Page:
Bad Plan

When I was 16, I lived in Denmark as an exchange student. About a month after I arrived, every Rotary student in the country was sent to a two week long, sleep-away language camp. That first week of language camp, my fifth week in Denmark, I almost got sent home.

There were about 100 teenagers at camp, kids from all over the world, all 16 to 18 years old, all in Denmark, all of us together. We were 100 teenagers sent away to camp so, of course, a social hierarchy immediately crystallized.

At home, the cool kids in school were all fairly good looking and wore jeans with the right stitch pattern on the pockets. They had slightly above average jump shots and possessed that elusive mosaic of personality traits that, I don't know, inspired the middle-school-Gods to smile down upon them.

In Denmark, it was a bit simpler.

In Denmark, the cool kids were Brazilian.

Back home the Brazilians allegedly spent the majority of their waking hours out dancing and drinking in clubs. They must have also been somewhat nocturnal, since their evenings out didn't start until 10 or 11 pm. They loved to party, and were thoroughly disappointed with the lackluster Bacchanalian offerings of our little language school.

One night, they'd had enough, and word got out.

Tonight, after lights out, party in room 204.

Now, the Brazilians ruled our social world absolutely, but they were benevolent: everyone was invited to the party. More people, more party.

"Everyone" was just about the only kind of guest list I was making as a 16 year old, so I took advantage.  That night, thoroughly disgusted with my up til now completely failed attempts at being a suave adolescent, I decided to simply be somebody else.

I was in Denmark, thousands of miles away from the freshman team basketball practice and evenings spent snuggled up to Pre-Calculus homework.

In Denmark, I could be the kind of kid that went to secret not allowed parties with my glamorous Brazilian friends.

So that's who I became.

I walked up to the door of room 204, knocked lightly, and walked in. Inside were crammed a few dozen kids listening to music quietly and drinking - if you can believe it - beer they bought out of a vending machine in the hallway.

Ah, Denmark.

I sat myself on the floor up against the wall, hugged my knees to my chest, and immediately started feeling very nervous.

Walking down the hallway in a spontaneous act of protest, it turns out, had not instantly transformed me into the kind of kid that actually enjoyed this type of thing.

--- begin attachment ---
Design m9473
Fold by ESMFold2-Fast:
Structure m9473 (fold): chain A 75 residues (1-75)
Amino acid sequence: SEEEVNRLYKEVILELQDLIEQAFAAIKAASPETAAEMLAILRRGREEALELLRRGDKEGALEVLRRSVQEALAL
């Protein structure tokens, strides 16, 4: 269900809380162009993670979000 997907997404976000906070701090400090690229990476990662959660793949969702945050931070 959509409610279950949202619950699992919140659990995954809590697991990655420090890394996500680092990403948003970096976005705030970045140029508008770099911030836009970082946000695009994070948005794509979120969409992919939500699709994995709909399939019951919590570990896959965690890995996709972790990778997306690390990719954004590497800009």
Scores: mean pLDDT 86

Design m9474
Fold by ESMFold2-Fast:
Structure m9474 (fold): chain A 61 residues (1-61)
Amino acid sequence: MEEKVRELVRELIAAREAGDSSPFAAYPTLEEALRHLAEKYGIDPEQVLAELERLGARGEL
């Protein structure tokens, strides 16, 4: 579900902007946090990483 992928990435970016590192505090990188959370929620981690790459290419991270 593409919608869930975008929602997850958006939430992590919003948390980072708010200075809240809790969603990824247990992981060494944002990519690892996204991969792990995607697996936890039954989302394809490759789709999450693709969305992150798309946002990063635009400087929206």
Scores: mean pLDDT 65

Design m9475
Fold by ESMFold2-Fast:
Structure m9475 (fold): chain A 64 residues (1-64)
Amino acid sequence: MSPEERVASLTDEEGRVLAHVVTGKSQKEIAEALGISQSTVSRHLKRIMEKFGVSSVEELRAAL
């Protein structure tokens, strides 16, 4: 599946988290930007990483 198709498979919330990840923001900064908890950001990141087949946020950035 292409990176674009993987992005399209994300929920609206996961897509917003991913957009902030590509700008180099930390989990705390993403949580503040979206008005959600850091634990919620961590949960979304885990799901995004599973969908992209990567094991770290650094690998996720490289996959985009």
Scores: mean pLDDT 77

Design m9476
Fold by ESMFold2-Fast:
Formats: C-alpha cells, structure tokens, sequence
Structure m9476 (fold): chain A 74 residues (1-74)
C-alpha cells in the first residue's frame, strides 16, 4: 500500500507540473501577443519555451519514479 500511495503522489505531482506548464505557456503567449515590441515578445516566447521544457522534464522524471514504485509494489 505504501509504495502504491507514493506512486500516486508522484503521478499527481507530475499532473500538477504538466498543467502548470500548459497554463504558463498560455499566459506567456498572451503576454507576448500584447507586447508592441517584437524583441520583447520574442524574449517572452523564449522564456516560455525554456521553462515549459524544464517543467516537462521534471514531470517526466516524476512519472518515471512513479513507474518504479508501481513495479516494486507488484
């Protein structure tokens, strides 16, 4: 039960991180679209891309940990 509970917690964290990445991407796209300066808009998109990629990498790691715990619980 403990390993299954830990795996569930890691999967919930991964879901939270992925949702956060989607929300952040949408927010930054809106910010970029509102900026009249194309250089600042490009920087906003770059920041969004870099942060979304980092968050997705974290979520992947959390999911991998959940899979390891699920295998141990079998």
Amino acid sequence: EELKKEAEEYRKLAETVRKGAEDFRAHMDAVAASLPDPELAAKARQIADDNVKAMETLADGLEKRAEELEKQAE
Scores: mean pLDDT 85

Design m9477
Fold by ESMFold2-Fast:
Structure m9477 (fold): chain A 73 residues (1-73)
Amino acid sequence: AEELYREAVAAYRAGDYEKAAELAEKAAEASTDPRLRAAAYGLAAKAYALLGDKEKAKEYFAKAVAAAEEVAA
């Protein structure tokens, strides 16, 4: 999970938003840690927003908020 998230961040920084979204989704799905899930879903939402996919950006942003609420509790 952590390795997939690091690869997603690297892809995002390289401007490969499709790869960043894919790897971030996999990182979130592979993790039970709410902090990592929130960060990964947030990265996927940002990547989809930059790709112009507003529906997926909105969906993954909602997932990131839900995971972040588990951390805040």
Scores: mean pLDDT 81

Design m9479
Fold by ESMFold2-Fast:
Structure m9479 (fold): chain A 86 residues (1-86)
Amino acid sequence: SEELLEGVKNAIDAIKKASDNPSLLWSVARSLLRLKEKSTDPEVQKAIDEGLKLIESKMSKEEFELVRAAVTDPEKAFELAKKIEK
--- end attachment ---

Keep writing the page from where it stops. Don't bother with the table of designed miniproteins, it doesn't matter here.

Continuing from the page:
I sat there in quiet misery for the next ten minutes, until the door opened again.

Standing in the doorway was our language instructor, and nobody needed a pocket dictionary to read the look on his face.

We were sent back to our rooms for the night until the next morning when we were herded into one of the larger classrooms.

In that room we were lectured, scolded, and threatened. We were a huge disappointment, we'd broken our word, had poorly represented our home countries and could quite possibly be sent home on the next flight headed West.

After 20 minutes, he left us in the room to think about what we'd done while he discussed our punishment with the rest of the instructors.

We sat in silence for a moment, and then one of the organizers of the party spoke up. He said we should just deny everything. What proof did they have? They couldn't send us home without proof, could they?

And then, horrified at that idea, I went into full Goody Two-Shoes mode.

I told him that plan was terrible and ridiculously stupid and would only get us into more trouble.

Deploying years of careful research into how to avoid getting into trouble, I suggested that we each admit what we had done, cooperate as much as possible, and above all, beg for forgiveness and promise never to do it again.

Our instructor came back into the room, and everyone took my advice.

We apologized, looked solemnly at our feet, admitted what we had done, and begged for forgiveness.

Everyone but the few organizers of the party walked away without any punishment at all. The organizers didn't have to go home, but they did have to go back to their host families and explain what happened.

I might not have been brave that day, leading a room of my peers into surrender, isolating the leaders and leaving them to their fate.

I wasn't brave, but I was honest.

It may not have been someone to be proud of, but it was exactly who I was.